The CEA will require the effectiveness to be measured separately for each NMEP activity. Analysis of process outcomes (e.g., www.Medicare.gov Web site hits) is straightforward. Data are gathered and collected in a simple database where they may be analyzed for a cost-consequence study.
Analysis of cost data depends on data availability. Budgeting or accounting records may be organized in a simple database. For other forms of costing, one could use a “bottom-up” method, in which individual pieces of an activity are separately valued and summed to estimate total costs. A model of all major components of an activity must be developed and costs attached to each component. The first challenge is to identify a full list of components that will generate an accurate depiction of costs. For example, suppose that total costs of one NMEP activity equal the sum of labor costs, facilities and capital costs, and materials costs. Within these are multiple classes of workers (hourly, salary, and temporary), a single source of capital, several buildings, and three different types of materials used in the activity. These major headings are further broken down to the extent that components can be identified and separately costed. If worker compensation is not available for a finer level of detail (than hourly, salary, and temporary) or if there is little variation within subclasses, then no further gradations are needed. At each level, then, costs are gathered as availableeither directly from the source (e.g., CMS wage and salary records)or from some comparable external source (e.g., Bureau of Labor Statistics average wage data by occupation and industry).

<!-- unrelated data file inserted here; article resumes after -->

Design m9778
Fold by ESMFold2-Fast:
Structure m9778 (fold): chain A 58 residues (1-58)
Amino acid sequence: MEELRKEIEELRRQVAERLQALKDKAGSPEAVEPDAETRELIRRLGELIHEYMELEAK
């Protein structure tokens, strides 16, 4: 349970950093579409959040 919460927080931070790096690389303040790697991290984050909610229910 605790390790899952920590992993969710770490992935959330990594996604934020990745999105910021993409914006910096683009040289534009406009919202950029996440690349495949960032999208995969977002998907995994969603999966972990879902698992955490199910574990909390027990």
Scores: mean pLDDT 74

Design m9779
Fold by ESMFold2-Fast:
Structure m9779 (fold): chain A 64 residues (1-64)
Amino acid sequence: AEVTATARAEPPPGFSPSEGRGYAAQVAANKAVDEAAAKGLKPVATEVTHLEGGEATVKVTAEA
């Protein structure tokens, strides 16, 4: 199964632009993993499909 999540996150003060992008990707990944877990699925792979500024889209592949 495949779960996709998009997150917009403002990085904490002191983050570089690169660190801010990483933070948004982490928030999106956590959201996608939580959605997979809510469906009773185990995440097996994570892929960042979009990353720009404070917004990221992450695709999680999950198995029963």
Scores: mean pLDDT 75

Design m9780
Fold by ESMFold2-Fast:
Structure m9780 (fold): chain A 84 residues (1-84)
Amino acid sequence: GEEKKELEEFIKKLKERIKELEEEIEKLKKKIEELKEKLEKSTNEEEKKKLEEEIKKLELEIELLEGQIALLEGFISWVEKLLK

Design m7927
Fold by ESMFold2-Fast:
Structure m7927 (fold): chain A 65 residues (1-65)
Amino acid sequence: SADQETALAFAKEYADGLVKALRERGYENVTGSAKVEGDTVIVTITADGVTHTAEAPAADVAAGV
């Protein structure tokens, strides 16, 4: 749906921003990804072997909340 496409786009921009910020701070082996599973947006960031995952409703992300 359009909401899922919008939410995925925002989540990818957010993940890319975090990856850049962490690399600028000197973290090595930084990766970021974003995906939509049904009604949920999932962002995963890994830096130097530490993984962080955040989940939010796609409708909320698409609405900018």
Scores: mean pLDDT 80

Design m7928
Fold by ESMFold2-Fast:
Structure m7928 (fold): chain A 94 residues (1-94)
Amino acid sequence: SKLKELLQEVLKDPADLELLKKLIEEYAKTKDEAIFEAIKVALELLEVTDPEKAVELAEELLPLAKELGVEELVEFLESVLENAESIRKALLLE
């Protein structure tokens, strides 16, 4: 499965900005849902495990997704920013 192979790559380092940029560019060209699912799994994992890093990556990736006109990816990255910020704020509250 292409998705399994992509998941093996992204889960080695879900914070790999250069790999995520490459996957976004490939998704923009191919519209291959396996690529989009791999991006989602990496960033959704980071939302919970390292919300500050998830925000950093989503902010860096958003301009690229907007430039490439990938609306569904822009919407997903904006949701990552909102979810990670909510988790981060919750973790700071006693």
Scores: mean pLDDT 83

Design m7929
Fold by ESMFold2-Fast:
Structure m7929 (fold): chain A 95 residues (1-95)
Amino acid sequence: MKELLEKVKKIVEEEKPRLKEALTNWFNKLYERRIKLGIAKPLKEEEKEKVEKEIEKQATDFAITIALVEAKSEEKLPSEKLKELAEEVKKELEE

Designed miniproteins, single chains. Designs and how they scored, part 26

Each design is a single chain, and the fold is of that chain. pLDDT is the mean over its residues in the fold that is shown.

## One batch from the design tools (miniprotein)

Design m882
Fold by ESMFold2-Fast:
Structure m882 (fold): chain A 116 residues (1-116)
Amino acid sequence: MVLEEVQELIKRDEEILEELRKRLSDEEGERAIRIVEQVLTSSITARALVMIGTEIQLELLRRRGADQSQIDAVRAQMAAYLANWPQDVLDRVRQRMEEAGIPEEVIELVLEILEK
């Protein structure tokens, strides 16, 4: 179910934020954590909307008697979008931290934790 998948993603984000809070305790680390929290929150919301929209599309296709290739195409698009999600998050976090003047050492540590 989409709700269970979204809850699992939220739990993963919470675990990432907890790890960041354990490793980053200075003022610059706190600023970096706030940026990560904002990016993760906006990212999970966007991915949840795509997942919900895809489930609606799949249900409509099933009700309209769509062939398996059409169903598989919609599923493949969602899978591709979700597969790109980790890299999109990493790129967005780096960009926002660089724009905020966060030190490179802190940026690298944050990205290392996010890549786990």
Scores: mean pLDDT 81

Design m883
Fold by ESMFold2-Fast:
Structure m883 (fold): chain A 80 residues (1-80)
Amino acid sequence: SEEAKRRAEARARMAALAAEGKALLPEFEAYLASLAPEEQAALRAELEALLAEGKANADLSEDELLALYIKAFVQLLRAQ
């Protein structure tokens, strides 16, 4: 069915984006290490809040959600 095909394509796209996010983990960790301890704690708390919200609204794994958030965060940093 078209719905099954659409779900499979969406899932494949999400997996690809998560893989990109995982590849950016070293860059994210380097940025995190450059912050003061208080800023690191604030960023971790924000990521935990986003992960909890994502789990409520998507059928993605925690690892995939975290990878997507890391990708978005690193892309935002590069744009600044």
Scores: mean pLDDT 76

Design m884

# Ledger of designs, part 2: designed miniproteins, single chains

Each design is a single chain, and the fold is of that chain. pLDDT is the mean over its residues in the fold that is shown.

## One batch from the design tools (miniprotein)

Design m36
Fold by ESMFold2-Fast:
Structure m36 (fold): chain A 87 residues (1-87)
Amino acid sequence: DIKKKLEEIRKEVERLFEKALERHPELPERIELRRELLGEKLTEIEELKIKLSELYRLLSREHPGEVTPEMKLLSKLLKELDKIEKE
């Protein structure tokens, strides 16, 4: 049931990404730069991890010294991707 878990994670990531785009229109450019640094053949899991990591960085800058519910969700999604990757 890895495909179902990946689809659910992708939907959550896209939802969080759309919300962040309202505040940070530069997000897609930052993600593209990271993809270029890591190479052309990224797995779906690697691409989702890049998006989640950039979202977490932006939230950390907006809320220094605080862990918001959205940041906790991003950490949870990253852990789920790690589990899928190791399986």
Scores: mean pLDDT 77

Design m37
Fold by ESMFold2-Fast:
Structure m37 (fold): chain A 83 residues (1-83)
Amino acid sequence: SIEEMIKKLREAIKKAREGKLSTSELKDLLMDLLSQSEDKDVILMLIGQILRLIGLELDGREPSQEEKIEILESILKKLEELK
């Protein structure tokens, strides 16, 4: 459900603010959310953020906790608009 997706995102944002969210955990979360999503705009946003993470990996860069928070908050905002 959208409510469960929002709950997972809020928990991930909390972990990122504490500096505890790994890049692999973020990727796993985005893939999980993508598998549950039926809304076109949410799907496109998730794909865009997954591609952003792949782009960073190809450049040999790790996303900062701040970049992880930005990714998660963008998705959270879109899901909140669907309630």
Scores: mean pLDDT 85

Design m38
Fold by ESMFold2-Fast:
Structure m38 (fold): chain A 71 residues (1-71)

Once effectiveness (outcome) and cost data are available, the cost-effectiveness calculations are quite simple. For a specific NMEP activity, the cost-effectiveness is the costs of that activity divided by the “effect” of that policy. For example, a 10-unit increase in the beneficiary knowledge index may be obtained for an investment of $1 million in a hypothetical activity. To compare and rank activities, estimates are sometimes transformed into single unit changes; in this case, a one-unit increase for a cost of $100,000. It is important to note, however, that transforming the estimates into such changes is not always meaningful or correct. Not all policies can be reduced in size, nor does the effectiveness necessarily change equally. To address these concerns, the incremental ICER is preferred. Moving from policy A to B, the ICER is defined as the change in the costs [(costs of activity B minus costs of activity A)/(effects of activity B minus effects of activity A)].